Issue #4 - Zenitizer
This week we take a look at Zenitizer, created by Manuel Kehl. Zenitizer is a meditation app with an intuitive design.
Zenitizer is an app you can just pick up and use, it’s simple and just makes sense. Even though it is simple manuel has taken the time to add help buttons through out the app to guide the user as needed.
Daily goals help you stay on track with your routine, as with everything about this app it’s done in a subtle way.
What is Zenitizer?
Zenitizer is a clean and simple meditation timer and habit tracker. It is designed to feel at home on Apple devices and is deeply integrated with the platform (Shortcuts, HealthKit, iCloud, Widgets, full-featured watchOS app…).
In contrast to guided meditation apps, it does not have any spoken instructions, but relies on auditive and haptic cues to remind meditators to return their focus or inform them when the session ends or transitions to a different stage.
Where did the idea for Zenitizer come from?
Personally, I started meditating in a quite stressful time of my life and enjoyed it so much that I have (more or less) stuck with it ever since. Back then, I used guided meditation apps which were a great introduction.
But over time, the spoken instructions actually felt like a source of distraction for me and the fixed script felt too limiting, which sparked my curiosity about unguided meditation with just a timer. The stock iOS timer app was too limited, because it lacks the notion of recurring intervals bells and the meditation timer alternatives I found were either not as well integrated with Apple's platform features as I wanted, or simply had certain design and functionality decisions that differed too much from the vision I had in mind.
Unable to find something that ticked all the boxes for me, I decided to go for the classic "scratch my own itch" app project, like so many of us indie developers :)
What’s one stand out feature you’d like everyone to know about?
In general, streaks can be motivating, but they can quickly feel like a chore and, in the worst case, be a source of stress; quite the opposite of what a meditation app should be! So I wanted a way to prevent that, while still encouraging users to form a daily habit.
The compromise I ended with (and that has been well received by my users so far) is this: You set a daily meditation goal (e.g. 15 minutes). When you reach that goal your streak score grows. But when you don't reach your goal your streak will stay alive (i.e. not reset to 0) as long as you meditated at all that day.
Personally, the days when I'm hesitant to meditate are when I could use meditation the most! And on those days the thought of sitting still for 10, 15 or 30 minutes at a time may seem daunting, but just one minute to keep that streak going is usually doable. And once I do sit down and meditate, I'll often be in the right mindset to keep going for longer than a minute.
But even if I don't end up meditating longer, just a single minute will often make me reflect about my current thoughts in a way that helps navigate them much better, so there is a real benefit in meditating daily - even just a little - and I wanted the streaks feature to reflect that.
Currently, I’m evaluating strategies to make the streak strategy even more “forgiving” and easier to communicate. One option I consider is making the streak grow each day you meditate (no matter how long) and then giving “bonus points” when reaching the daily goal.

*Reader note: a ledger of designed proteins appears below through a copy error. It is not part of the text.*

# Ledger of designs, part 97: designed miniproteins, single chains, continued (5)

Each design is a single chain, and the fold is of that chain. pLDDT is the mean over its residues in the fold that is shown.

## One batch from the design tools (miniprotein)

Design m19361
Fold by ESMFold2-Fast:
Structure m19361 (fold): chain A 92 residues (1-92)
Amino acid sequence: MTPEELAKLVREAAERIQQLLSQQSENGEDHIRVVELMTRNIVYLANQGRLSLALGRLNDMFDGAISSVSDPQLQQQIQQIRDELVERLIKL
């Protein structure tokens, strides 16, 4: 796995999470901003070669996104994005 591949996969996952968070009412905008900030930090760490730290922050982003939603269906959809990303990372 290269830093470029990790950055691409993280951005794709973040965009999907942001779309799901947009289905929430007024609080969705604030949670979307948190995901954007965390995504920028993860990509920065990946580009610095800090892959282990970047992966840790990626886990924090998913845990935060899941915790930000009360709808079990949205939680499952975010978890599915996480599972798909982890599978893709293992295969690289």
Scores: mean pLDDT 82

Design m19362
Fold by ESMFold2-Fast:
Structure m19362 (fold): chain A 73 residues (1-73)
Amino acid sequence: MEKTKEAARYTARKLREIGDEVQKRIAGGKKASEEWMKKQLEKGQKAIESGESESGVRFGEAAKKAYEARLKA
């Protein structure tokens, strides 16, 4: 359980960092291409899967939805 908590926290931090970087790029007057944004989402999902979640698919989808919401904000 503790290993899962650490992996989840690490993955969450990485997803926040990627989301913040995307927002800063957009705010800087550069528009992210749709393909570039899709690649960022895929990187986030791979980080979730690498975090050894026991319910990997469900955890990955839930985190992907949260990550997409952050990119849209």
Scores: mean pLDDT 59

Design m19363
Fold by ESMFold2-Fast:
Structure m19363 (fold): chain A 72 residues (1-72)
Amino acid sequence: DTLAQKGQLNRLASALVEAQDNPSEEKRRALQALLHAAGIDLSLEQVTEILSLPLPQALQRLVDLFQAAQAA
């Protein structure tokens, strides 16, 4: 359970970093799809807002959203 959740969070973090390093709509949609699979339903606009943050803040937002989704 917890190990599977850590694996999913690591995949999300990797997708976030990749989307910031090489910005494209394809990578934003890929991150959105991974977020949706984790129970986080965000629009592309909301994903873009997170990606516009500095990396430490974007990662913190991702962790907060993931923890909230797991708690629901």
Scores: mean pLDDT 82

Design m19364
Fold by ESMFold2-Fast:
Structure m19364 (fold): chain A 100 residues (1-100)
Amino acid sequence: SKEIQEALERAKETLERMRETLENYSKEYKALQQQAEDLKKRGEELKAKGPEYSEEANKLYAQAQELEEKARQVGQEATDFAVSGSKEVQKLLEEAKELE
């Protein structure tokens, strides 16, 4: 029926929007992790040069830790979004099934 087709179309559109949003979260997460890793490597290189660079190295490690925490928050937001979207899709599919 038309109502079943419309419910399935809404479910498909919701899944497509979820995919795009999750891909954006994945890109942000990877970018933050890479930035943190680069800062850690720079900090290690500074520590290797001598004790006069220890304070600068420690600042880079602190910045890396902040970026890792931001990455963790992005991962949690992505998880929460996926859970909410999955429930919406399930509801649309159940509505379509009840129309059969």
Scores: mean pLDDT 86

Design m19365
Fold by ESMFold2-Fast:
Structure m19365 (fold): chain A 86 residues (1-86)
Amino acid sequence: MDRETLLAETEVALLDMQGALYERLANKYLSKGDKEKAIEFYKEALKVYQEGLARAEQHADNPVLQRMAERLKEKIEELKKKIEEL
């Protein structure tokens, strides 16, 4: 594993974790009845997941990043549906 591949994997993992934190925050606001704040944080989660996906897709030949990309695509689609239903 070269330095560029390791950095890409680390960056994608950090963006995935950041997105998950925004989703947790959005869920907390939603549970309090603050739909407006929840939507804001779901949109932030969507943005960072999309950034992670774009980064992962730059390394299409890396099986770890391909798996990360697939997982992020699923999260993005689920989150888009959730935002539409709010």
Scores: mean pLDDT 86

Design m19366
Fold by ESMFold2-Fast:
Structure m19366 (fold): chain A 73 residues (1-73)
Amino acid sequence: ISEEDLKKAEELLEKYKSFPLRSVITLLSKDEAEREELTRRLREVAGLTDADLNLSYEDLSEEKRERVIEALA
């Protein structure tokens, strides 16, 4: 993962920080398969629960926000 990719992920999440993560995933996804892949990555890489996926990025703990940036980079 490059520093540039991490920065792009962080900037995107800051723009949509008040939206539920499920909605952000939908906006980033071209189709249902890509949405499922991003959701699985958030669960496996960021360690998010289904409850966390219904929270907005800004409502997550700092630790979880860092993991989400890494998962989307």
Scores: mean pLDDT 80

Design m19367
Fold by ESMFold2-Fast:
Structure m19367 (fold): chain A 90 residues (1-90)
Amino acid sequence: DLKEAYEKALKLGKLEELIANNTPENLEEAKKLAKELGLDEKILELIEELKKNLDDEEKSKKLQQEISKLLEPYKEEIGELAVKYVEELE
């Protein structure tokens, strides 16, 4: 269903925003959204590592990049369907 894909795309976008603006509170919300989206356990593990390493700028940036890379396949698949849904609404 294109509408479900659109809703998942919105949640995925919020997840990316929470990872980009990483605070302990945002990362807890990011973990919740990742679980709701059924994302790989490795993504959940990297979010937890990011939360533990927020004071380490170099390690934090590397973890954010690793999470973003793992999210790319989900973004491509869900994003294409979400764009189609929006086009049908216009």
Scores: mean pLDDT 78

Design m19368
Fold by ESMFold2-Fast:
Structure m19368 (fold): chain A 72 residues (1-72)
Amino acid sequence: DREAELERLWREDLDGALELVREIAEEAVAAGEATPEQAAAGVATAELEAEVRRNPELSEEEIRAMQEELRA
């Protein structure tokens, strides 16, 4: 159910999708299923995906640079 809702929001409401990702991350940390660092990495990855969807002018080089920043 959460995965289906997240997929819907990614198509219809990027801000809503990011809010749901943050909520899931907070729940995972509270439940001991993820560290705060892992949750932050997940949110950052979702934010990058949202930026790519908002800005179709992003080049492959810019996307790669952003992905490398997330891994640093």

It’s all still very much work in progress and any feedback from readers would be much appreciated :)
How do you promote Zenitizer?
I've participated in both Indie App Santa and Matt Corey's Indie Dev "Prime Day" Sale both of which gave a nice bump in download numbers. With iCloud support I recently published my first "big update" which I announced on Product Hunt and I reached out to the press and filled out the App Store editorial form about a month in advance. While it was not featured on the App Store, I was thrilled to find that MacStories covered Zenitizer in a super-detailed review. As a long-time MacStories reader this was an incredible honour and totally made my day!
Do you have any tips when it comes to contacting the media?
A press kit certainly is a great place to start. I know Roddy recommended ImpressKit here and I would definitely give that another vote. It makes it easy to manage screenshots, info text as well as press releases for individual updates.
When contacting members of the press, I try to be mindful of the fact that they’re probably very busy (i.e. not to taking it personally, if I don’t hear back or the response is very brief) and communicate friendly and politely because... well, they too, are just human beings, after all :)
I generally aim to write emails that address them individually and convey why my app/release might be a good match specifically for their publication and of interest to their audience.
I personally think of the press kit like a “resume” (which can be the same for multiple, similar jobs) and the email like a cover letter, which you’ll want to adapt for each job to introduce yourself and establish a personal connection. I honestly lack the experience to say whether the extra work is “worth it” but it feels like the right thing to do and I plan to continue doing this in the future.
Regarding timing and communication, I usually aim to announce things early in advance (about a month) to allow them to have my launch on their radars and then follow up a little closer to the actual release to confirm the date and provide further info, TestFlight links, an updated press release or whatever may be applicable.
Generally, I strive to be reliable and predictable in my communication because ultimately whoever may be interested in covering my app will have their own schedule and will need to plan ahead. That means, once I communicate a date, I do everything in my power to actually ship on that date.